Documentation

sym

Create symbolic variables, expressions, functions, matrices

The syntaxes sym(A,set) and sym(A,'clear') for a symbolic object A in the MATLAB® workspace have been removed. Use assume(A,set) and assume(A,'clear') instead.

Support of strings that are not valid variable names and do not define a number will be removed in a future release. To create symbolic expressions, first create symbolic variables, and then use operations on them. For example, use syms x; x + 1 instead of sym('x + 1'), exp(sym(pi)) instead of sym('exp(pi)'), and syms f(var1,...varN) instead of f(var1,...varN) = sym('f(var1,...varN)').

Syntax

Description

example

x = sym('x') creates symbolic variable x.

example

A = sym('a', [n1 ... nM]) creates an n1-by-...-by-nM symbolic array filled with automatically generated elements. For example, A = sym('a',[1 3]) creates the row vector A = [a1 a2 a3]. The auto-generated elements do not appear in the MATLAB workspace. For arrays, these elements have the prefix a followed by the element's index using _ as a delimiter, such as a1_3_2.

example

A = sym('a', n) creates an n-by-n symbolic matrix filled with automatically generated elements.

example

sym(___, set) creates a symbolic variable or array and sets the assumption that the variable or all array elements belong to a set. Here, set can be 'real', 'positive', 'integer', or 'rational'.

example

sym(___, 'clear') clears assumptions set on a symbolic variable or array. You can specify 'clear' after the input arguments in any of the previous syntaxes, except combining 'clear' and set. You cannot set and clear an assumption in the same function call to sym.

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sym(num) converts a number or numeric matrix to a symbolic number or symbolic matrix.

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sym(num, flag) uses the technique specified by flag for converting floating-point numbers to symbolic numbers.

example

symexpr = sym(h) creates a symbolic expression or matrix symexpr from an anonymous MATLAB function associated with the function handle h.

Examples

Create Symbolic Variables

Create the symbolic variables x and y.

x = sym('x');
y = sym('y');

Create Symbolic Vector

Create a 1-by-4 symbolic vector a with auto-generated elements a1, ..., a4.

a = sym('a', [1 4])
a =
[ a1, a2, a3, a4]

Format the names of elements of a by using a format string as the first argument. sym replaces %d in the format string with the index of the element to generate the element names.

a = sym('x_%d', [1 4])
a =
[ x_1, x_2, x_3, x_4]

This syntax does not create symbolic variables x_1, ..., x_4 in the MATLAB workspace. Access elements of a using standard indexing methods.

a(1)
a(2:3)
ans =
x_1
ans =
[ x_2, x_3]

Create Symbolic Matrices

Create a 3-by-4 symbolic matrix with automatically generated elements. The elements are of the form ai_j, which generates the elements A1_1, ..., A3_4.

A = sym('A',[3 4])
A =
[ A1_1, A1_2, A1_3, A1_4]
[ A2_1, A2_2, A2_3, A2_4]
[ A3_1, A3_2, A3_3, A3_4]

Create a 4-by-4 matrix with the element names x_1_1, ..., x_4_4 by using a format string as the first argument. sym replaces %d in the format string with the index of the element to generate the element names.

B = sym('x_%d_%d',4)
B =
[ x_1_1, x_1_2, x_1_3, x_1_4]
[ x_2_1, x_2_2, x_2_3, x_2_4]
[ x_3_1, x_3_2, x_3_3, x_3_4]
[ x_4_1, x_4_2, x_4_3, x_4_4]

This syntax does not create symbolic variables A1_1, ..., A3_4, x_1_1, ..., x_4_4 in the MATLAB workspace. To access an element of a matrix, use parentheses.

A(2,3)
B(4,2)
ans =
A2_3
 
ans =
x_4_2

Create Symbolic Multidimensional Arrays

Create a 2-by-2-by-2 symbolic array with automatically generated elements A1_1_1, ..., A2_2_2.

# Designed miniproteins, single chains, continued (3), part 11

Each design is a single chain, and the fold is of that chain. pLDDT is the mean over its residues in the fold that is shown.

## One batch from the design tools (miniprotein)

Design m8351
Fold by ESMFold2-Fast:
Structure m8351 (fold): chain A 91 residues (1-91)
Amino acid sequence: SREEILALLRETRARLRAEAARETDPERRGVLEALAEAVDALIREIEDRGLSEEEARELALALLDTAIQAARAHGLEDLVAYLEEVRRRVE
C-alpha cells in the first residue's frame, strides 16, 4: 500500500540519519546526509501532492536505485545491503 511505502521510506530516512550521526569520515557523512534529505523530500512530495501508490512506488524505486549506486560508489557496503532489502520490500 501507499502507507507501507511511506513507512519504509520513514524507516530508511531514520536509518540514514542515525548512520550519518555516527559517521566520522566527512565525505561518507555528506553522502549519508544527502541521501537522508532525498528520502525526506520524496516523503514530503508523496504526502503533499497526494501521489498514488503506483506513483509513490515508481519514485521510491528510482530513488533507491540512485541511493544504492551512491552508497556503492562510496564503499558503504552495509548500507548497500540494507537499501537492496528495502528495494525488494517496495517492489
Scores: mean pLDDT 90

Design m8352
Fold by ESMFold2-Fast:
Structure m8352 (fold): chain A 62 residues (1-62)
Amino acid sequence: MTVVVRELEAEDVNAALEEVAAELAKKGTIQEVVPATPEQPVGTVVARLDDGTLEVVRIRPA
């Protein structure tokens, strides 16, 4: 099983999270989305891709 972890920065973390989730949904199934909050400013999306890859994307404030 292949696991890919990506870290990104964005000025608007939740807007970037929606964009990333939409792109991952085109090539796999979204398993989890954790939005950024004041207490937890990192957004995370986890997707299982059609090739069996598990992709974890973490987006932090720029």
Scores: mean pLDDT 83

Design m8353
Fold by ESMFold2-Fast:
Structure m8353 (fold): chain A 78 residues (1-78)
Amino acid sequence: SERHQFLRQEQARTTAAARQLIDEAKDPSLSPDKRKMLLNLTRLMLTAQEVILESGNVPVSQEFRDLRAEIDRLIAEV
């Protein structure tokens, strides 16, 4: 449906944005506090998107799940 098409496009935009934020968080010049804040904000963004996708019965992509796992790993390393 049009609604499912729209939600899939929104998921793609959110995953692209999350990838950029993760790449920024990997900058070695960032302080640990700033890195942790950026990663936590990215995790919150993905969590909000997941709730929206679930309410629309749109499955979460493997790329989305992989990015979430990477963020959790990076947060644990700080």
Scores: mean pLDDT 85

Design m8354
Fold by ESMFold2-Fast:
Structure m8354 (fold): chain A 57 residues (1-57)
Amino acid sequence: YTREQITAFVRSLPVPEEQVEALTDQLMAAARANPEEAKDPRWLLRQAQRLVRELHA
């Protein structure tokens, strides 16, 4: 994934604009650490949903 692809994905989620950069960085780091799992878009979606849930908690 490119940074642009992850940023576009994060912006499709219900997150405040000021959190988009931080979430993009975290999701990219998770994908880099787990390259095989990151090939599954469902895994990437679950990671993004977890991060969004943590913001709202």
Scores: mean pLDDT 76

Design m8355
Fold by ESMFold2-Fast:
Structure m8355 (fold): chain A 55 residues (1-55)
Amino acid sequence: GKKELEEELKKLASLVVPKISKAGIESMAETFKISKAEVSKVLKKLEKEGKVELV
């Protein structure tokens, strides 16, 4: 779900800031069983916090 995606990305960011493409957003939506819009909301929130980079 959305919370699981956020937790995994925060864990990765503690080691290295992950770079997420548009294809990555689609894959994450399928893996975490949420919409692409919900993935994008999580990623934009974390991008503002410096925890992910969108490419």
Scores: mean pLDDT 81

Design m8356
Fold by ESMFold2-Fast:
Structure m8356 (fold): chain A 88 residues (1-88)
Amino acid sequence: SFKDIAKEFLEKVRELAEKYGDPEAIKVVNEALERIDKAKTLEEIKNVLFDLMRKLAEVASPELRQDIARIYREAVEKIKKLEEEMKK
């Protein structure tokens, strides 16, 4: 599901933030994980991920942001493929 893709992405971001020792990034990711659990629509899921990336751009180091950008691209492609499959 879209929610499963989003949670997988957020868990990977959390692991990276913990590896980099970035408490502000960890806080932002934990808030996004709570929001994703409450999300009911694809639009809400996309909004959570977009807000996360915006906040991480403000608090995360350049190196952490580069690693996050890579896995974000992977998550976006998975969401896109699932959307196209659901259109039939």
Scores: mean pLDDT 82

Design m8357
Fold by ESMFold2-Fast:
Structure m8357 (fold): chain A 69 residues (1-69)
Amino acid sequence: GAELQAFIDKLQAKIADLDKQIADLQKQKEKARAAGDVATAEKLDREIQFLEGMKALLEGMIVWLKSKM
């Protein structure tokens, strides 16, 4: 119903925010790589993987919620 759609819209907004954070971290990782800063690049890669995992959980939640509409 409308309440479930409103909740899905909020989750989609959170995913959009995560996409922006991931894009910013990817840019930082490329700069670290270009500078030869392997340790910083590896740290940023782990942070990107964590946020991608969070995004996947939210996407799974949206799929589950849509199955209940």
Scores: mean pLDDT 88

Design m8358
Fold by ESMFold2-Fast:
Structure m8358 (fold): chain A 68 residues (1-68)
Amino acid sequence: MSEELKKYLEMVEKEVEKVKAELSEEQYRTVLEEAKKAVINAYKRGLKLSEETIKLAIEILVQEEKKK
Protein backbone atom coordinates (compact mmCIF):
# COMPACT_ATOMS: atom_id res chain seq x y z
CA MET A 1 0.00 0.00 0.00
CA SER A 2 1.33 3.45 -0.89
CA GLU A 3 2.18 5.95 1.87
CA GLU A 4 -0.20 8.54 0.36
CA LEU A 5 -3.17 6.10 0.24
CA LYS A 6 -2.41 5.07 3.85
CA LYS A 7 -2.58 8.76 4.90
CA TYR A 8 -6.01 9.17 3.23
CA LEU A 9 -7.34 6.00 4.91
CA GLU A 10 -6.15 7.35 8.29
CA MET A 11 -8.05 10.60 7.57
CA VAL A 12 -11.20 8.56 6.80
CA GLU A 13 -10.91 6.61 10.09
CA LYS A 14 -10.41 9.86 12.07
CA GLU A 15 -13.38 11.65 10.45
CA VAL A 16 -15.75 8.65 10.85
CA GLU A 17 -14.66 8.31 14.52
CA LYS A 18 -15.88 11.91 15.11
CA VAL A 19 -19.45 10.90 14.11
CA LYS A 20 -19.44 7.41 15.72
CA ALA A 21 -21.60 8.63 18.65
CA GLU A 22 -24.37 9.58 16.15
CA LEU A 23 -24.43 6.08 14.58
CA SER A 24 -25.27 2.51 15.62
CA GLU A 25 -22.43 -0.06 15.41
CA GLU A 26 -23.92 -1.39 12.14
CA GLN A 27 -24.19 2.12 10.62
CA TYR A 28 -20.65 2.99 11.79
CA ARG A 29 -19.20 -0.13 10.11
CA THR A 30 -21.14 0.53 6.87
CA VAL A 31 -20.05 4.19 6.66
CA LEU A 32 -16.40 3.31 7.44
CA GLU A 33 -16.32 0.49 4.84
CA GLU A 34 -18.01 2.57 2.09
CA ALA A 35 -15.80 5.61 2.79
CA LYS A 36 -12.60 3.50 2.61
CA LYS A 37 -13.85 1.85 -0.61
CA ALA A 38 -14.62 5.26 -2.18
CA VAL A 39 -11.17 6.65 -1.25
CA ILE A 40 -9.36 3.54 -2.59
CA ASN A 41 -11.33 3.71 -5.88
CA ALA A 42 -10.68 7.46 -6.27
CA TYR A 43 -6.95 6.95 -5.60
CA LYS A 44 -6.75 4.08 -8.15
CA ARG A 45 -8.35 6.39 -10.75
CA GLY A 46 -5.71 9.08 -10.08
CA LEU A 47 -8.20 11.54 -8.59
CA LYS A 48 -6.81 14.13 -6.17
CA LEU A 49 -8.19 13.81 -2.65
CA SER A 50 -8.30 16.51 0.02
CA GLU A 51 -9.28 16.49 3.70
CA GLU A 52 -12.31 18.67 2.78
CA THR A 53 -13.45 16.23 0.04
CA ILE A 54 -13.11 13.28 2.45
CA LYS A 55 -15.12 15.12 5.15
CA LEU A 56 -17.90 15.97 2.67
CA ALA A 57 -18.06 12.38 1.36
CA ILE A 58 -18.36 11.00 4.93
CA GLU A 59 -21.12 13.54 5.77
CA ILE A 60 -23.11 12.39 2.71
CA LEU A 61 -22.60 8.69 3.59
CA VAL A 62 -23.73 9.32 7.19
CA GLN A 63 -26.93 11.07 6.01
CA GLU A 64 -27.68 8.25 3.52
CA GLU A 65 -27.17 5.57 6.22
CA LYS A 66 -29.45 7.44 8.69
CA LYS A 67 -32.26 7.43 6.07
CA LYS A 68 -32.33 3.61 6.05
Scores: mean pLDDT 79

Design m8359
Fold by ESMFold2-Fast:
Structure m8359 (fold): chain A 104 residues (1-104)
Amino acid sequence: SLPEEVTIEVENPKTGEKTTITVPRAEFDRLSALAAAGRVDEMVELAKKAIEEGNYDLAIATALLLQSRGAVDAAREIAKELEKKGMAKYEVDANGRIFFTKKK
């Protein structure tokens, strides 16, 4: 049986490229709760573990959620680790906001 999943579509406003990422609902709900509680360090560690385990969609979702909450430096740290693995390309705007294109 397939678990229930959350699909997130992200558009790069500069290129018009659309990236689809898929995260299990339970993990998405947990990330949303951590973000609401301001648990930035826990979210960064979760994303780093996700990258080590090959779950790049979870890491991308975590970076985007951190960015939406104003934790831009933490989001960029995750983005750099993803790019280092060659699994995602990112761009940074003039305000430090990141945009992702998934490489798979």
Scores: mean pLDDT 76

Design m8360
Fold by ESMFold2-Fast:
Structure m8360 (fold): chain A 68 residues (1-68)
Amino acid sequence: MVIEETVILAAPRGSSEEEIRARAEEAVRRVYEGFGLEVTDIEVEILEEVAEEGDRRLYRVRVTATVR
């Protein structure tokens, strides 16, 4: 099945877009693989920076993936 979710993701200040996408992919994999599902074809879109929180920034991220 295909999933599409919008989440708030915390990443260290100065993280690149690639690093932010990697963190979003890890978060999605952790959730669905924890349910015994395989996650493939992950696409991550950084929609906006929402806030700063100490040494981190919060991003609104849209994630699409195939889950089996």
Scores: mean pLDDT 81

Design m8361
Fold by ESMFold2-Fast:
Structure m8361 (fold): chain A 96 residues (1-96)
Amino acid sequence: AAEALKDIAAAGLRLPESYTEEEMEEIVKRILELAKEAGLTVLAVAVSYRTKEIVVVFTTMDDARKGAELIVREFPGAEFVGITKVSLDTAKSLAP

A = sym('a',[2 2 2])
A(:,:,1) =
[ a1_1_1, a1_2_1]
[ a2_1_1, a2_2_1]
A(:,:,2) =
[ a1_1_2, a1_2_2]
[ a2_1_2, a2_2_2]

Create Symbolic Numbers

Convert numeric values to symbolic numbers or expressions. Use sym on subexpressions instead of the entire expression for better accuracy. Using sym on entire expressions is inaccurate because MATLAB first converts the expression to a floating-point number, which loses accuracy. sym cannot always recover this lost accuracy.

inaccurate1 = sym(1/1234567)
accurate1 = 1/sym(1234567)

inaccurate2 = sym(sqrt(1234567))
accurate2 = sqrt(sym(1234567))

inaccurate3 = sym(exp(pi))
accurate3 = exp(sym(pi))
inaccurate1 =
7650239286923505/9444732965739290427392
accurate1 =
1/1234567

inaccurate2 =
4886716562018589/4398046511104
accurate2 =
1234567^(1/2)

inaccurate3 =
6513525919879993/281474976710656
accurate3 =
exp(pi)

Create Large Symbolic Numbers

When creating symbolic numbers with 15 or more digits, use quotation marks to accurately represent the numbers.

inaccurateNum = sym(11111111111111111111)
accurateNum = sym('11111111111111111111')
inaccurateNum =
11111111111111110656
accurateNum =
11111111111111111111

When you use quotation marks to create symbolic complex numbers, specify the imaginary part of a number as 1i, 2i, and so on.

sym('1234567 + 1i')
ans =
1234567 + 1i

Create Symbolic Expressions from Function Handles

Create a symbolic expression and a symbolic matrix from anonymous functions associated with MATLAB handles.

h_expr = @(x)(sin(x) + cos(x));
sym_expr = sym(h_expr)
sym_expr =
cos(x) + sin(x)
h_matrix = @(x)(x*pascal(3));
sym_matrix = sym(h_matrix)
sym_matrix =
[ x,   x,   x]
[ x, 2*x, 3*x]
[ x, 3*x, 6*x]

Set Assumptions While Creating Variables

Create the symbolic variables x, y, z, and t simultaneously assuming that x is real, y is positive, z integer, and t is rational.

x = sym('x','real');
y = sym('y','positive');
z = sym('z','integer');
t = sym('t','rational');

Check the assumptions on x, y, and z using assumptions.

assumptions
ans =
[ in(t, 'rational'), in(x, 'real'), 0 < y, in(z, 'integer')]

For further computations, clear the assumptions using assume.

assume([x y z t],'clear')
assumptions
ans =
Empty sym: 1-by-0

Set Assumptions on Matrix Elements

Create a symbolic matrix and set assumptions on each element of that matrix.

A = sym('A%d%d',[2 2],'positive')
A =
[ A11, A12]
[ A21, A22]

Solve an equation involving the first element of A. MATLAB assumes that this element is positive.

solve(A(1, 1)^2 - 1, A(1, 1))
ans =
1

Check the assumptions set on the elements of A by using assumptions.

assumptions(A)
ans =